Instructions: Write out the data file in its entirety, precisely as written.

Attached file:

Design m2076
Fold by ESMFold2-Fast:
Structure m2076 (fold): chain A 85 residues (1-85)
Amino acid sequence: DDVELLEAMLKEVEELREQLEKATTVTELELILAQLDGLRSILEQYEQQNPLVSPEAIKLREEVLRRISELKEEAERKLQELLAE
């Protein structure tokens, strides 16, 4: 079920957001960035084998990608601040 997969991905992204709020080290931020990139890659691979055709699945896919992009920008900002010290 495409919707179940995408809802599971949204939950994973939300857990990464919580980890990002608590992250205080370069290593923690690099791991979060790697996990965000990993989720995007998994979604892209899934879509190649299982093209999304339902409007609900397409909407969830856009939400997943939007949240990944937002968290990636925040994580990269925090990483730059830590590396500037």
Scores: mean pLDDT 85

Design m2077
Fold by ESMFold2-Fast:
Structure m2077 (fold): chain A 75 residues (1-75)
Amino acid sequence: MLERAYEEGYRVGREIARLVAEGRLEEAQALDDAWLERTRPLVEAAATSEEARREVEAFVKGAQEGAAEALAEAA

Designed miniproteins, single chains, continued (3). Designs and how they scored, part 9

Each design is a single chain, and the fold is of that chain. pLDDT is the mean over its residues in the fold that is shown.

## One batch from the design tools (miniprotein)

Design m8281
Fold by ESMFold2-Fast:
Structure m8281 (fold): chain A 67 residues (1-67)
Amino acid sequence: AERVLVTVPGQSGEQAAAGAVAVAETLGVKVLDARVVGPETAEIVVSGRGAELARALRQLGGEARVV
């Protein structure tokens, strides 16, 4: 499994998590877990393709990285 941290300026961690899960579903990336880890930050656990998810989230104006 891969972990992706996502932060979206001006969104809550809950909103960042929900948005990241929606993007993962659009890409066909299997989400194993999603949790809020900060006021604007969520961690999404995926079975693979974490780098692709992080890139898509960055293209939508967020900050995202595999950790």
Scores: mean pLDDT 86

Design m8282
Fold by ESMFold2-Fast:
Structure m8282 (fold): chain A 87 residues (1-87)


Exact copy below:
Design m2076
Fold by ESMFold2-Fast:
Structure m2076 (fold): chain A 85 residues (1-85)
Amino acid sequence: DDVELLEAMLKEVEELREQLEKATTVTELELILAQLDGLRSILEQYEQQNPLVSPEAIKLREEVLRRISELKEEAERKLQELLAE
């Protein structure tokens, strides 16, 4: 079920957001960035084998990608601040 997969991905992204709020080290931020990139890659691979055709699945896919992009920008900002010290 495409919707179940995408809802599971949204939950994973939300857990990464919580980890990002608590992250205080370069290593923690690099791991979060790697996990965000990993989720995007998994979604892209899934879509190649299982093209999304339902409007609900397409909407969830856009939400997943939007949240990944937002968290990636925040994580990269925090990483730059830590590396500037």
Scores: mean pLDDT 85

Design m2077
Fold by ESMFold2-Fast:
Structure m2077 (fold): chain A 75 residues (1-75)
Amino acid sequence: MLERAYEEGYRVGREIARLVAEGRLEEAQALDDAWLERTRPLVEAAATSEEARREVEAFVKGAQEGAAEALAEAA

Designed miniproteins, single chains, continued (3). Designs and how they scored, part 9

Each design is a single chain, and the fold is of that chain. pLDDT is the mean over its residues in the fold that is shown.

## One batch from the design tools (miniprotein)

Design m8281
Fold by ESMFold2-Fast:
Structure m8281 (fold): chain A 67 residues (1-67)
Amino acid sequence: AERVLVTVPGQSGEQAAAGAVAVAETLGVKVLDARVVGPETAEIVVSGRGAELARALRQLGGEARVV
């Protein structure tokens, strides 16, 4: 499994998590877990393709990285 941290300026961690899960579903990336880890930050656990998810989230104006 891969972990992706996502932060979206001006969104809550809950909103960042929900948005990241929606993007993962659009890409066909299997989400194993999603949790809020900060006021604007969520961690999404995926079975693979974490780098692709992080890139898509960055293209939508967020900050995202595999950790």
Scores: mean pLDDT 86

Design m8282
Fold by ESMFold2-Fast:
Structure m8282 (fold): chain A 87 residues (1-87)